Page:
There are many reasons why you might buy a breast pump. You may need to relieve engorgement, boost milk supply, express at work, or want to share feeding duties with a partner or family member.
As Rachele Lowe, a breastfeeding counsellor from La Leche League (the nonprofit breastfeeding organisation) points out, “Hand expression is a really useful skill and, with a bit of practice, can be very effective, but many mums like to use a breast pump too, especially if they need to express regularly”.
If you have just given birth and are juggling all the responsibilities that come with welcoming your new child, the last thing you want to be dealing with is a pump that doesn’t work.
When it comes to something as personal and important as feeding your child, our breast pump reviews and recommendations make it as easy as possible.
In our effort to find the best breast pumps on the market for most mums, we commissioned Alison Williams, a journalist and mum of two grown-up children, to write about breast pumps. She has experienced almost every stage of the parenting journey and, as a journalist, has written articles on a wide variety of parenting subjects.
During the testing process, she partnered with Sam, a mum of three with newborn twins and a seven-year-old.
So, which breast pumps did we test?
We spent 18 hours conducting research to find out which products real mums were recommending. We scoured the Mumsnet Talk boards, read reviews, talked to experts (including Rachele from La Leche League and Emma Pickett, chair of the Association of Breastfeeding Mothers and an International Board of Lactation Consultant Examiners lactation consultant) and researched new and exciting models as well as those with the best reputation.
Following this, we made a longlist of 40 products, which was later whittled down to a shortlist of 15 pumps – five single electric pumps, two double electric pumps, a combined single/double electric pump, six manual pumps, and a new silent, wearable pump – to put to the test, with an emphasis on testing for a variety of parenting situations and needs.
Here is the full list:
- Ardo Calypso Double Plus electric breast pump
- Medela Harmony manual breast pump
- MAM 2-in-1 electric and manual
- Elvie wearable pump
- Lansinoh Compact single electric breast pump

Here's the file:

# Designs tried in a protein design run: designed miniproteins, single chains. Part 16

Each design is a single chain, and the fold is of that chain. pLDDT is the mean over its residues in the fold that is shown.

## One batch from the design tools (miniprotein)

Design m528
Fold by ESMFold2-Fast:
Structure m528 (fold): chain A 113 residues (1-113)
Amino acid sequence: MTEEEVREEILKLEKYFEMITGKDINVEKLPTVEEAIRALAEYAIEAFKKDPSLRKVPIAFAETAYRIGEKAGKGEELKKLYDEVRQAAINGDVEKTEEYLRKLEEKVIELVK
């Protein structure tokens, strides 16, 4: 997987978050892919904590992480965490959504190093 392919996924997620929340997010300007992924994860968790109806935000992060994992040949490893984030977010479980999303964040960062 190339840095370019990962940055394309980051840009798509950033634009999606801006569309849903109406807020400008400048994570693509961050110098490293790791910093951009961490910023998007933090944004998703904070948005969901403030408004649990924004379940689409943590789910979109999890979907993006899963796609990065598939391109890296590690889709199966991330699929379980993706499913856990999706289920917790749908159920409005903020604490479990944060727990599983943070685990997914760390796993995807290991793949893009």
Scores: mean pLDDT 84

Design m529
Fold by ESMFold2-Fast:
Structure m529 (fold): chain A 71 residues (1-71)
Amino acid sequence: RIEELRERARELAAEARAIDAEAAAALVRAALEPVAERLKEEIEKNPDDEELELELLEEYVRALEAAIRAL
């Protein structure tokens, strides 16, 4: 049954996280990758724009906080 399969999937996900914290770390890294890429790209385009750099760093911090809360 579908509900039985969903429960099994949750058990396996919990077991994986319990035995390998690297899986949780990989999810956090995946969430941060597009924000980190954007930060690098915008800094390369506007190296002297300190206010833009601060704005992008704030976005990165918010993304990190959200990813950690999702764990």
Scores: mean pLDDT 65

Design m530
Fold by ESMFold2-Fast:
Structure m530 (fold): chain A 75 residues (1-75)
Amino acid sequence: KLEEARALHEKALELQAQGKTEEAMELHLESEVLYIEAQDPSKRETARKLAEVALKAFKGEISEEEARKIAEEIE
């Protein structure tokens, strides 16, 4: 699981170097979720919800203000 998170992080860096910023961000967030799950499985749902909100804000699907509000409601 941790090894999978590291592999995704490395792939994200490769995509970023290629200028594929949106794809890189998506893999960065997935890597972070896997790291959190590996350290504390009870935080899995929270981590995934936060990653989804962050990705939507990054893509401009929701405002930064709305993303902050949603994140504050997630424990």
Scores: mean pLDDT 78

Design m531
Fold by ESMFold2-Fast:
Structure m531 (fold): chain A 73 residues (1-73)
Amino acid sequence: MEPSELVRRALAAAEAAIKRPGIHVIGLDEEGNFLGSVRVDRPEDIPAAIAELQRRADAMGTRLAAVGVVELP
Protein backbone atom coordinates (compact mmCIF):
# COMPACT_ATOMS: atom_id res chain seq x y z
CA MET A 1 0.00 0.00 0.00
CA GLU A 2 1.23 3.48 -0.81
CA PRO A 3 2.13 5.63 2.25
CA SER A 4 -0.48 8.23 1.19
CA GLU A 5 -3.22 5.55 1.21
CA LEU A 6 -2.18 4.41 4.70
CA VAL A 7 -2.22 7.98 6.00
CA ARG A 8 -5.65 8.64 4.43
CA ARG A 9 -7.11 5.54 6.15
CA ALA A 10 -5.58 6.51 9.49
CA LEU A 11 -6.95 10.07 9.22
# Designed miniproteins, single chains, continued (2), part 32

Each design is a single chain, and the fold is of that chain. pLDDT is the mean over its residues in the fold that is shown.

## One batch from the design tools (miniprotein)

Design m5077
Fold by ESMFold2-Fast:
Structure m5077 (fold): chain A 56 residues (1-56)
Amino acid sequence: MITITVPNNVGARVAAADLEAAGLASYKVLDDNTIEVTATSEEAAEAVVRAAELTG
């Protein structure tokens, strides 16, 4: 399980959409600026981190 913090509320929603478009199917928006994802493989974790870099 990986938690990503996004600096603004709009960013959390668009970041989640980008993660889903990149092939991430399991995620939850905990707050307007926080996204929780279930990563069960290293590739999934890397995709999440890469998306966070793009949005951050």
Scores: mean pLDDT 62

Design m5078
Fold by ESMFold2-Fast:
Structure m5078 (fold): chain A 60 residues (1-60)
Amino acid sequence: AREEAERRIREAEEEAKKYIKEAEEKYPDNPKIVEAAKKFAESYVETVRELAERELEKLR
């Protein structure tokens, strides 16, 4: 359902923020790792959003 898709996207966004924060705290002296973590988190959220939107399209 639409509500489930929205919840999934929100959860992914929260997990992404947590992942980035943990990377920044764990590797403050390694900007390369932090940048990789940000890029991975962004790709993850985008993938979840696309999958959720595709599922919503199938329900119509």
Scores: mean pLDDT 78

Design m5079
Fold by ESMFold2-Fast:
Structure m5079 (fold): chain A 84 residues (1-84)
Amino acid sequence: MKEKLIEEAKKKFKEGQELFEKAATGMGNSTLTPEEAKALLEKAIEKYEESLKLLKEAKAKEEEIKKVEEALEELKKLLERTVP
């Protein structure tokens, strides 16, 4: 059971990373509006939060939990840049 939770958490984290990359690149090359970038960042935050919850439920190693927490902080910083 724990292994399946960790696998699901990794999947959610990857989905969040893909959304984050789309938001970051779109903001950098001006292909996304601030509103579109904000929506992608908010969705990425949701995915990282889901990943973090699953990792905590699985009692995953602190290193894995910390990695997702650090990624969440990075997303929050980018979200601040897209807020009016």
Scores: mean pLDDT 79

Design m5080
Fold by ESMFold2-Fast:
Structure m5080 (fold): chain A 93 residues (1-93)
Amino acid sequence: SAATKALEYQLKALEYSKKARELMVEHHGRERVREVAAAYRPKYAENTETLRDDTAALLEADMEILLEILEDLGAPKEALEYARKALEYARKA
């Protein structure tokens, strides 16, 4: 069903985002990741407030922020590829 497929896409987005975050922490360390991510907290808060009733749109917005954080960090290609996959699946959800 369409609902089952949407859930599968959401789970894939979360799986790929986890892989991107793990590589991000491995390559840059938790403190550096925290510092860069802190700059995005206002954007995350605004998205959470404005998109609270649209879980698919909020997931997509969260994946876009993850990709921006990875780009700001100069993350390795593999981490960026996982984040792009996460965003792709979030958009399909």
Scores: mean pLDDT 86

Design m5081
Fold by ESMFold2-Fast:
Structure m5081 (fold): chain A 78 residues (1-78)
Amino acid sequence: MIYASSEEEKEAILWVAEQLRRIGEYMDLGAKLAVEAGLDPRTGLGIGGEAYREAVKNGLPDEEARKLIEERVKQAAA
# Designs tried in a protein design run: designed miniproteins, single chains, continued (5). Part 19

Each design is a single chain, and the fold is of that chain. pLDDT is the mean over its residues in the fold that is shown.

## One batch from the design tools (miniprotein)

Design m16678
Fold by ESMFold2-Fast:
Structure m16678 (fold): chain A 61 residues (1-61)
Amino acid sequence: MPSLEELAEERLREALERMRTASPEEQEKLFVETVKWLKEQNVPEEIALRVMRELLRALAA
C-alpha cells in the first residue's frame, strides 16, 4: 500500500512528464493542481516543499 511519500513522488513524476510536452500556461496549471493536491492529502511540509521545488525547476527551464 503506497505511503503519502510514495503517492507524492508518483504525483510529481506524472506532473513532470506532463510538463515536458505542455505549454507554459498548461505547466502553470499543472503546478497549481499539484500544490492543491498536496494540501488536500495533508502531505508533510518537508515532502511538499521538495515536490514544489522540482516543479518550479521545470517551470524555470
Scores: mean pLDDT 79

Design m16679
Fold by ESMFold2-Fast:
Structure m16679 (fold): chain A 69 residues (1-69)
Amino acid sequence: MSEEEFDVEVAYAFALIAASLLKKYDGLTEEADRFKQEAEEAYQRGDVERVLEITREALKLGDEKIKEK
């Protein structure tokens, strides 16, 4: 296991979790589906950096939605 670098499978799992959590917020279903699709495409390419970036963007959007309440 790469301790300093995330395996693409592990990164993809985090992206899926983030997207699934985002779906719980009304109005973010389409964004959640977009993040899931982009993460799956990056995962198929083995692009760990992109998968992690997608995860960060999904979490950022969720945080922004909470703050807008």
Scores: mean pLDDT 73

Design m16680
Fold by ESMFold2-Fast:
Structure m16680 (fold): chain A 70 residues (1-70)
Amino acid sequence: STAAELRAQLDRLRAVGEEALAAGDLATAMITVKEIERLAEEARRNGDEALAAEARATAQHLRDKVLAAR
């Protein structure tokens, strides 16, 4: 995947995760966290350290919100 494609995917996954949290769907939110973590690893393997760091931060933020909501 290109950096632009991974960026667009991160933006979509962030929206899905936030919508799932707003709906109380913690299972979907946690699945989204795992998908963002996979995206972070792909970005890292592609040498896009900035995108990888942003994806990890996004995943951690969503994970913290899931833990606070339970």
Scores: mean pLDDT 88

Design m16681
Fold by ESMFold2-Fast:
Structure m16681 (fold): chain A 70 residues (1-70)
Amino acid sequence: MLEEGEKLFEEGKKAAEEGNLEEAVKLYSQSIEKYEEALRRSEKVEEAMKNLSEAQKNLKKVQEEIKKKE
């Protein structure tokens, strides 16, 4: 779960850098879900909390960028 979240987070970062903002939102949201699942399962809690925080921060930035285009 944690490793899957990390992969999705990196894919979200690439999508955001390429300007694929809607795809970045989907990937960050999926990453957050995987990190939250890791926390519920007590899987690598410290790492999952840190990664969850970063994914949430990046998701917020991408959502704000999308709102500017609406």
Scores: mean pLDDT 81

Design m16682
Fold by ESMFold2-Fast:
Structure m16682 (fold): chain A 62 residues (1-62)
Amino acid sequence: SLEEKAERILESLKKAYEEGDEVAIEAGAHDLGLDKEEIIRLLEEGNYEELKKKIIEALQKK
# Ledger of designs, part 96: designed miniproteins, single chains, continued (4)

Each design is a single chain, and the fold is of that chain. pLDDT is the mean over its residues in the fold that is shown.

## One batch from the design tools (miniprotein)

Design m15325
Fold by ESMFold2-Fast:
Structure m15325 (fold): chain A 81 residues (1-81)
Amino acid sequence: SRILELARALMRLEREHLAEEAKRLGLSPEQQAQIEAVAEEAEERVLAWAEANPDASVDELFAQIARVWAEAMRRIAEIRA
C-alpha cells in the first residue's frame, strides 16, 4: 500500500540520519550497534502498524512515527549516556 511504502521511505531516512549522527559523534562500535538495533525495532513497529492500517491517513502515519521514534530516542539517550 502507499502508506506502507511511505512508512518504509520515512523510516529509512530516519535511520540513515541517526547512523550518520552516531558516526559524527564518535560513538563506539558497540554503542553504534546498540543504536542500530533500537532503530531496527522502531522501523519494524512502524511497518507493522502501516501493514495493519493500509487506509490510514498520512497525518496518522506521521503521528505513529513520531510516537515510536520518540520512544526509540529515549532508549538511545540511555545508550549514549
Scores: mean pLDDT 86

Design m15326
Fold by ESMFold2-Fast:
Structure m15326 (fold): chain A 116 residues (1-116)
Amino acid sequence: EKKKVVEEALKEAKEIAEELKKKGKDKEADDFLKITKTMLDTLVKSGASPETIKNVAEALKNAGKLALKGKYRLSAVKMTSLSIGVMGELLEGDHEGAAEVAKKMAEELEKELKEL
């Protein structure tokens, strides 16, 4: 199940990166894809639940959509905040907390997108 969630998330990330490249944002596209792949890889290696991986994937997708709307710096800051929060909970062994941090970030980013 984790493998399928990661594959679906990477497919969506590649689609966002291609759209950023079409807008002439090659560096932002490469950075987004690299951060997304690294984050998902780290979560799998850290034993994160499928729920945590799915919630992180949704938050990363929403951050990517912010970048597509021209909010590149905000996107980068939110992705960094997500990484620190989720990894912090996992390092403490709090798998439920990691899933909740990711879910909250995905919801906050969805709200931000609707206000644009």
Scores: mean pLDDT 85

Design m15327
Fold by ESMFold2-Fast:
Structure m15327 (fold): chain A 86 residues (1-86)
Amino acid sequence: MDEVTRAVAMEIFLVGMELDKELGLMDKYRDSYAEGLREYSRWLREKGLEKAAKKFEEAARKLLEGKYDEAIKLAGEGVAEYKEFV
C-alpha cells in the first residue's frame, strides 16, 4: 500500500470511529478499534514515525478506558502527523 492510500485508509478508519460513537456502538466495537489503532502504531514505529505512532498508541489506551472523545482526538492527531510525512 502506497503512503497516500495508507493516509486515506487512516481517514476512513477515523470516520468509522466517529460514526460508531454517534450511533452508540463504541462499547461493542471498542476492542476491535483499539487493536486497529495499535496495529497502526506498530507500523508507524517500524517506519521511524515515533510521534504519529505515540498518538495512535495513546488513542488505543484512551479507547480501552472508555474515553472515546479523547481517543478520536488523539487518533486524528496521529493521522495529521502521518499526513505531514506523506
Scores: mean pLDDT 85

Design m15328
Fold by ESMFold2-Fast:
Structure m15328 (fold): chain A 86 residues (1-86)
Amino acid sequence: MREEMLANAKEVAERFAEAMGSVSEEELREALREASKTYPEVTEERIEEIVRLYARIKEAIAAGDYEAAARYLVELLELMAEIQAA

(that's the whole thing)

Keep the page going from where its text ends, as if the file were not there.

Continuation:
- Haakaa silicone pump
- Medela Swing single electric
- Philips Avent single electric
- Lansinoh 2-in-1 double electric
- Nuby Natural Touch digital electric
- Haberman 2-Phase manual pump
- Tommee Tippee manual
- Philips Avent manual
- NUK Nature Sense battery-operated rechargeable pump
- Ardo Amaryll Start manual pump
Which breast pump is best?
After four months of research and thorough testing, five breast pumps triumphed: the Ardo Calypso Double Plus (Best Double Electric Breast Pump 2019), the Medela Harmony (Best Manual Breast Pump 2019), the MAM 2-in-1 (Best Breast Pump for Working Mums 2019), the Lansinoh Compact (Best Single Electric Breast Pump 2019) and the Elvie (Best Discreet Breast Pump 2019).
The Ardo Calypso Double Plus impressed us most because of its versatility and efficiency. As such, we think it’s the best breast pump for most parents.
Who tested the products?
At Mumsnet, we believe that one expert should test every product in the running. It would be quicker and cheaper to send each product out to a different tester, but we believe that consistent scoring and like-for-like comparisons are crucial.
With far fewer variables in the testing process than other sites, we are absolutely confident in our recommendations.
We put the breast pumps through their paces for over 300 hours, testing vigorously and as honestly as possible to ensure that each model had been pushed to its limits.
Our tester, Sam, had newborn twins at the start of this process and had used breast pumps before with her older child (now three years old).
She used each breast pump throughout the day and night, undertaking frequent feeds with her two newborns, and split her testing between manual and electric.
The manual pumps were tested for a day each and the electrics tested for a minimum of two to three days in a row so that she could thoroughly try out all the different settings. She has continued to use the Elvie post-testing.
How were the breast pumps scored?
Each product was put through a series of specific tests to help us find the five best breast pumps on the market.
The breast pumps were scored based on six key categories: safety and stability, assembly, day-to-day use, cleanliness, discretion and convenience, and value for money.
How did you test for safety and stability?